Using the Happy Cow app on my phone I had tracked down Broadfork, a vegan cafe a block or two away from the Seattle Center. They say they a farm-to-fork restaurant offering food that is both and vegan - so I thought I would give them a whirl!
Lighthouses stand sentinel atop windswept cliffs, sea smells waft up through the air and waves collide with a crash where the Pacific Ocean meets the Columbia River below
Names of places can be evocative so when I discovered that on our road trip to the very north-western point of Oregon we’d be close to Cape Disappointment and the close-by Dismal Nitch. Where did these names derive from?
Let’s start with Cape Disappoint. In 1788 English fur trader John Meares travelled up the coast in search of the entrance of the Colombia River. In those days the river was known as the San Roque, named by the Spanish explorer Bruno de Heceta (Hezeta) who had been asked by the King of Spain to explore the coastline north of California. Apparently, he was the first European to land in what is now the State of Washington. Of course, the First Nations people (the Chinooks) were already there and knew well the river, which they called Yakaitl-Wimahl. Now generally us Brits are usually pretty good at exploring and sailing but Meares’ genes must have gone awry because he could not find the entrance to the river, which has to be said is massive, and instead found himself in a little inlet which basically is a dead-end. Now, obviously, he was not too happy which caused him to write, “We can now with safety assert, that no such river as that of St. Roc exists, as laid down in the Spanish charts”. If only he’d checked over his left shoulder on his way out of the inlet he might have noticed the big river passing by! Anyway, so as not to leave totally empty-handed he had managed to spot the 700-foot basalt column sticking out of the sea, a well-known landmark even then, to which he applied his best sarcastic wit (another British trait) and named the place Cape Disappointment. Perhaps he should have called it Cape Loser or something similar!
Dismal Nitch, despite sounding like something out of 1950s Horror B-Film is actually a site of great accomplishment, not failure. This little cove on the banks of the Colombia River, opposite the city of Astoria, Oregon was the last place the renowned explorers Meriwether Clark and William Lewis camped, in early 1805, before they first spied the Pacific Ocean after their epic journey across the county to chart and claim the Western Territory for the United States. Sadly, today it is nothing more than a lay-by with toilets, so most people probably are more interested in emptying their bladder than checking up on their American history. Anyway, I liked the name even if the place was a bit disappointing.
1. DISMAL NITCH
Cape Disappointment is blessed with two lighthouses. The North Head lighthouse was put into as the primary navigation into the Colombia River from the Ocean to stop ships running aground in what was known as the ‘Pacific Graveyard’. Sadly, this was not enough so a second lighthouse had to be put in.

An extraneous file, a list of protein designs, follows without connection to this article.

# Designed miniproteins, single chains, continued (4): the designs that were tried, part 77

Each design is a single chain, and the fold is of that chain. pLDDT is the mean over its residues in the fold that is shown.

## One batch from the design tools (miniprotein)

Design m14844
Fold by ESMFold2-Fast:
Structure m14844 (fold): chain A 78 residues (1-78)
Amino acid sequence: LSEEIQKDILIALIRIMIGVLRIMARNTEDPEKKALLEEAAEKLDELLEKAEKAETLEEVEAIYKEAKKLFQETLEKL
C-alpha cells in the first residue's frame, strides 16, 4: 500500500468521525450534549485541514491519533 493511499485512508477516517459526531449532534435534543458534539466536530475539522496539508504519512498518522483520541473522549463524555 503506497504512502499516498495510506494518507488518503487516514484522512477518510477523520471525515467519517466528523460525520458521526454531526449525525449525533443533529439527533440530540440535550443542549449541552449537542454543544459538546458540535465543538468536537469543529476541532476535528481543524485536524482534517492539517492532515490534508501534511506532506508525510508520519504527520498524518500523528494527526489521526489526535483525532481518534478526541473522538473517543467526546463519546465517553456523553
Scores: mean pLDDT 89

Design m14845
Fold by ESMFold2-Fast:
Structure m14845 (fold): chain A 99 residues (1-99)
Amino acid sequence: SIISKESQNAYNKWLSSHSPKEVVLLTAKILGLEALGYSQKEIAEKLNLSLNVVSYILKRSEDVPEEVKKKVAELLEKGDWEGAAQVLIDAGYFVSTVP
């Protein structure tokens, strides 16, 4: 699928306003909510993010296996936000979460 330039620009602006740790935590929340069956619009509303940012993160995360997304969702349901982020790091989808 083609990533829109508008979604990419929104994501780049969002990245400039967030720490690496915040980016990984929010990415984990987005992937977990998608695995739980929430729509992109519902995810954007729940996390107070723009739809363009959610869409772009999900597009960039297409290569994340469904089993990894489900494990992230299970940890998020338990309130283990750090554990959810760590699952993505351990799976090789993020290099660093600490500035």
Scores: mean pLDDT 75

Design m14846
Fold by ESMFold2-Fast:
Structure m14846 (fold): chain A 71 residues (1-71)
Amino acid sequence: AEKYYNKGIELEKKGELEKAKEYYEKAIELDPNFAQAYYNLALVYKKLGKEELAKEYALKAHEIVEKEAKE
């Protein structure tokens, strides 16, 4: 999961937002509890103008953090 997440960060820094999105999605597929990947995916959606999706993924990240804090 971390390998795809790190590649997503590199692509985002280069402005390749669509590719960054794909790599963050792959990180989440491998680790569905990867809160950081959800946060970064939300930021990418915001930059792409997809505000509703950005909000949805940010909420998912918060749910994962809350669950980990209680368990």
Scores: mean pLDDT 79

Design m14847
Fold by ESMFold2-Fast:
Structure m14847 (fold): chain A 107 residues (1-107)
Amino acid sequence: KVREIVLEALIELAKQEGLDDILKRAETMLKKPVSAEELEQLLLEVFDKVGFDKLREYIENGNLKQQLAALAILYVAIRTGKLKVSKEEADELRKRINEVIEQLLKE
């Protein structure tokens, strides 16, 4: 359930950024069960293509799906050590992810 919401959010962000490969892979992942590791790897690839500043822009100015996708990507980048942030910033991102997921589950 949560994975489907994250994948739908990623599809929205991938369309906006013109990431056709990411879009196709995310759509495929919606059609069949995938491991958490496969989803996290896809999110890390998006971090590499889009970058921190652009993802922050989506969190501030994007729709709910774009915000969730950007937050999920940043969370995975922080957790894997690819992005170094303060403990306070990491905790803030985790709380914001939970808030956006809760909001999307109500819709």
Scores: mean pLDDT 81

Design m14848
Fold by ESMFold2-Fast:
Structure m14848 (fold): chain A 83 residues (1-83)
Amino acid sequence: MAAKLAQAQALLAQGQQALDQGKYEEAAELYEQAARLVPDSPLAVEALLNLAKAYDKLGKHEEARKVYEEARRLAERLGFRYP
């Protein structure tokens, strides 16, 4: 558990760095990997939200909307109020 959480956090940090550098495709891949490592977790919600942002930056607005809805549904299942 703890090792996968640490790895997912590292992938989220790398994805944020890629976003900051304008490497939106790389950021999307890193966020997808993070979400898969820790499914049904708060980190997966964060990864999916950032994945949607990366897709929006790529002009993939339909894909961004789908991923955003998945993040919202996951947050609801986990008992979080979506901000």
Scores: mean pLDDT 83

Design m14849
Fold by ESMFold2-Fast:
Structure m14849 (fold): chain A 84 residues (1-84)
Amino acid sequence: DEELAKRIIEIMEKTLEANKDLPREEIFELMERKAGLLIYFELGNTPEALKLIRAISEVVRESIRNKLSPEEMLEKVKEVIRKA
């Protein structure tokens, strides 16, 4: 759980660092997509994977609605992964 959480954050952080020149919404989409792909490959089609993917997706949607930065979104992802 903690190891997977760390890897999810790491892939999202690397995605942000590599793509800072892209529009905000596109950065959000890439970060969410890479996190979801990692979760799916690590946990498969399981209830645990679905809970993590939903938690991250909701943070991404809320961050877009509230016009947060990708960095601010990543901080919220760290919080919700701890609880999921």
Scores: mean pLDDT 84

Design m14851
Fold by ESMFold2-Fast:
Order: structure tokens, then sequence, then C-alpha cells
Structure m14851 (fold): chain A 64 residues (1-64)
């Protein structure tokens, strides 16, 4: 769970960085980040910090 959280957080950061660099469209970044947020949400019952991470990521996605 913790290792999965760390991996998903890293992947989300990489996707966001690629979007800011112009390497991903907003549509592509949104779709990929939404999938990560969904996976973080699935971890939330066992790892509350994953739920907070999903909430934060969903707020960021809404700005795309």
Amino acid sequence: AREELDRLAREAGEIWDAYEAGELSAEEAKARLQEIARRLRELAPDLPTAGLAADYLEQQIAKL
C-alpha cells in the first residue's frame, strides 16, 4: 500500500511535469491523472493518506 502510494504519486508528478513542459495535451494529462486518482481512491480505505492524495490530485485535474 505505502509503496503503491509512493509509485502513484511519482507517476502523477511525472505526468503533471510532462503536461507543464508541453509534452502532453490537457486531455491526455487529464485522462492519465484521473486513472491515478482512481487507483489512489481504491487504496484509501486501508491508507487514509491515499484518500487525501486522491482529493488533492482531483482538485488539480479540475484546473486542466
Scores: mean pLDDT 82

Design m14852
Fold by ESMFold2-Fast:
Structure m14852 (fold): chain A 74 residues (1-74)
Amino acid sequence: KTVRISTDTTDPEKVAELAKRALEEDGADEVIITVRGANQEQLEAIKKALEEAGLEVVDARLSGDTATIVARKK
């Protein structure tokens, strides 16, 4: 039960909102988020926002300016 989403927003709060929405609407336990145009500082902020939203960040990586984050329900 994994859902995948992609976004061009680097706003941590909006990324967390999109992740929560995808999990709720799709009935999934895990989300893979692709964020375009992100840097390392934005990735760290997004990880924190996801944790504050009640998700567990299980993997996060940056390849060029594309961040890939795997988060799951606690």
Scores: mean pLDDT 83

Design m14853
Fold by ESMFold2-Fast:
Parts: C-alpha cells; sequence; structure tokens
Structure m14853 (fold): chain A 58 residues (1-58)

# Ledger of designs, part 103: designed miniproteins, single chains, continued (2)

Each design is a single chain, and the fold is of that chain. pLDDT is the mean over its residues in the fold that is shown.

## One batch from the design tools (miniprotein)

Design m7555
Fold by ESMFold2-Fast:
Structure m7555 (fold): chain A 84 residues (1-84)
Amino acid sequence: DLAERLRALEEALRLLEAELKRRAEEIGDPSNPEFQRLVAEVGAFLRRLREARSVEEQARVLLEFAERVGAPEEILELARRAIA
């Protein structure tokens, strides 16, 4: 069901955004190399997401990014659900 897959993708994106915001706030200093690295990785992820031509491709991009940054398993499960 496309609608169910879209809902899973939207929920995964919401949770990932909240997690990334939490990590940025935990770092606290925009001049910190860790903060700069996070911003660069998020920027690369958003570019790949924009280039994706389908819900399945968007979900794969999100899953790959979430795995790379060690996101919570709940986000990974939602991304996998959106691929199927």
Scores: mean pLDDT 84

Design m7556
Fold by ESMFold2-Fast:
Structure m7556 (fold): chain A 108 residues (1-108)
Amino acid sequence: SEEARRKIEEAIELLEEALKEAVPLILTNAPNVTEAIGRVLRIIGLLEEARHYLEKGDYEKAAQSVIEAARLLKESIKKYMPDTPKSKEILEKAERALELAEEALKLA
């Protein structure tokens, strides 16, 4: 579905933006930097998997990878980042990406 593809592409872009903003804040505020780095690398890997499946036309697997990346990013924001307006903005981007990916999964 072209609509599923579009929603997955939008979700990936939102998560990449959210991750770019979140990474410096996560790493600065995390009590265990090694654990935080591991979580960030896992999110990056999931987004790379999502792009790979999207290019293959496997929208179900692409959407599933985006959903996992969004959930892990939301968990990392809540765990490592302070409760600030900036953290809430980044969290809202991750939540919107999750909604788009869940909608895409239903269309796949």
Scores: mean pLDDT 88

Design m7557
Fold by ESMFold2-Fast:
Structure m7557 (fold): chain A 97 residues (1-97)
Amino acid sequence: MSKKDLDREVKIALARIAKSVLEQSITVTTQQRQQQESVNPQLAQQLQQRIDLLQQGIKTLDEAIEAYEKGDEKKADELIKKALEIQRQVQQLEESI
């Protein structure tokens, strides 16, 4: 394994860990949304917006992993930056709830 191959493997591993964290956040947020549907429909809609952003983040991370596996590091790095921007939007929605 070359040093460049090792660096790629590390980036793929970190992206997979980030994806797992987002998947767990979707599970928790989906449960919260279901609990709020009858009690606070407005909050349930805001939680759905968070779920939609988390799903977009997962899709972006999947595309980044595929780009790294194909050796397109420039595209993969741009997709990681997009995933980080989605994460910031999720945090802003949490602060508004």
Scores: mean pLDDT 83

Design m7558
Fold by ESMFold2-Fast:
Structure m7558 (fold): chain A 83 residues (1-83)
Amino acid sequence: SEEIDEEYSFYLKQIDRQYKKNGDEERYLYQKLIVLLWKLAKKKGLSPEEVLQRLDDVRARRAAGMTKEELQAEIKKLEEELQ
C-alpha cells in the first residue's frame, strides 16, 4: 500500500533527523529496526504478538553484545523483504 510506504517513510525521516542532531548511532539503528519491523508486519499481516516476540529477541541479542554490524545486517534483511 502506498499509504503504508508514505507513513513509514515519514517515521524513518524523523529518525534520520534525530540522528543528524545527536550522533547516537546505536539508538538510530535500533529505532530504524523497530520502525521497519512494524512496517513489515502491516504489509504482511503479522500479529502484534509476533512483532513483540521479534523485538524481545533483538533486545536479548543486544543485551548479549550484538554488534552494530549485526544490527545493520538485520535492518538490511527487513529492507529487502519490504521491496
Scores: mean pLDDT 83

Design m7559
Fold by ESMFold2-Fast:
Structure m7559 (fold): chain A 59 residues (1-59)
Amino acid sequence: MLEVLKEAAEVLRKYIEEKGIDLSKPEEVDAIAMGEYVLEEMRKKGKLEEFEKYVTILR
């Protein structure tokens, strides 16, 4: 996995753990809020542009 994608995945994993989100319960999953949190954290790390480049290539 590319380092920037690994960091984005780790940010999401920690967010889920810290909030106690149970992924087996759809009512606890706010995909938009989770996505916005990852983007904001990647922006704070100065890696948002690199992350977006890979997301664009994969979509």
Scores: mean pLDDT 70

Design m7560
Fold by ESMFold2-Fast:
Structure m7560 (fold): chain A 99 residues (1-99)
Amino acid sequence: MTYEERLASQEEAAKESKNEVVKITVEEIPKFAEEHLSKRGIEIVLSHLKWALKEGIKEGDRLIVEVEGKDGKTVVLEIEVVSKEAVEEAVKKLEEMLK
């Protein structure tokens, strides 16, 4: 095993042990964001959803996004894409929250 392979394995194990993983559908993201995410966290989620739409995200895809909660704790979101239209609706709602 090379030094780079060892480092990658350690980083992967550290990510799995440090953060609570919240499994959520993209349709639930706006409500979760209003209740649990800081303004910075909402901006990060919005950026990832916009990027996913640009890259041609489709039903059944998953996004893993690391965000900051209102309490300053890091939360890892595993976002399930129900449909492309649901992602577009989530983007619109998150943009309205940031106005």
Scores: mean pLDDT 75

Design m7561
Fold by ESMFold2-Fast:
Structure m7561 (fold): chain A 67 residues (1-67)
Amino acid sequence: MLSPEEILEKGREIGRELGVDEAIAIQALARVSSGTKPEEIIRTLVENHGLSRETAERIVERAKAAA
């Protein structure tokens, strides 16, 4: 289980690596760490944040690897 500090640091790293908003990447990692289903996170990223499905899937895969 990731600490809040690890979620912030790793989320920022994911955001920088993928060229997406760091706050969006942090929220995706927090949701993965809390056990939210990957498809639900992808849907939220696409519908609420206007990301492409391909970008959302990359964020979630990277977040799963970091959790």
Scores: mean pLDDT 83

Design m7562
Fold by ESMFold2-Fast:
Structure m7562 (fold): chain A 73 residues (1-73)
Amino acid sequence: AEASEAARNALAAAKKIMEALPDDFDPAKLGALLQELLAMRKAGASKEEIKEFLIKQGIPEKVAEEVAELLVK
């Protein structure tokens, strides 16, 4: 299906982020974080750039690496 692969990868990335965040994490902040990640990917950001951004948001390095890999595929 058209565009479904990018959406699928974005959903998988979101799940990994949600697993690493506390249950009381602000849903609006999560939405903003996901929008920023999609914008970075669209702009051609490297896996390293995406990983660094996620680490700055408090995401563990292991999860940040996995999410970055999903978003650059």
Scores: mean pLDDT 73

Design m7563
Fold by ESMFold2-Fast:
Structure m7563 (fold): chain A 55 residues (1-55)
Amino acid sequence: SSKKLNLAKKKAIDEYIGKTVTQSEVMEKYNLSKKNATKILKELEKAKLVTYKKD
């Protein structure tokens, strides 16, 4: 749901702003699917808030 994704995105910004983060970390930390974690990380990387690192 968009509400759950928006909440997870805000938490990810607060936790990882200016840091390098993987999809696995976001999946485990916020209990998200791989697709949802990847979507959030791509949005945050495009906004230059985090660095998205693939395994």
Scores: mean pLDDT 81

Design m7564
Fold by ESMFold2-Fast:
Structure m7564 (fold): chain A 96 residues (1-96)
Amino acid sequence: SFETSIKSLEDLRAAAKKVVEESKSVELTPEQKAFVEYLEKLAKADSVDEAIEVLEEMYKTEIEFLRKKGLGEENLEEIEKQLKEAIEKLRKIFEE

Both lighthouses are no longer in service but it is possible to get up close and personal to the North Head lighthouse and even go in and climb to the lightroom – but we went during the Covid-19 pandemic so it was closed to the public. The second lighthouse is closed to the public as the access to it is very sketchy due to erosion.
3. WAIKIKI BEACH & BENSON BEACH
It takes a degree of humour to call a beach on the Washington State Pacific coast Waikiki, but it does have a certain charm if not the guarantee of good weather. There is no way to describe this beach as long and sweeping instead it is a little bay that does a great job of collecting driftwood including whole trees that have tumbled into the sea. It is also a great place to birdwatch at the cliffs that overlook this micro-beach a home to numerous nesting seabirds. You also get some great views of the Cape Disappointment Head lighthouse. Well worth spending a few minutes here to explore this beach.
Benson Beach is more of your traditional beach. It is easily accessible from the main campgrounds or if you are not camping you can go down to the North Jetty Road that leads from Waikiki Beach. There is quite a lot of parking there (it does fill up quickly on busy days) with a path that leads onto the beach. Only a brave person would expose their body on this beach but is great for taking a walk along and playing in the waves (or the sand if you are younger or so inclined).
4. LEWIS & CLARK INTERPRETATION CENTRE
The Lewis and Clark Interpretive Center is located approximately two miles from the North Head Lighthouse. It sits high up on a cliff overlooking the confluence of the Columbia River and the Pacific Ocean. A focused interpretation of the Expedition’s discoveries and experiences along the Columbia River with special attention given to the Corp’s arrival at the mouth of the Columbia River and their overland journey to the shores of the Pacific Ocean. There are other exhibits about the are including some about the history of the lighthouses. Sadly, when we visited the centre was closed due to the Covid-19 pandemic.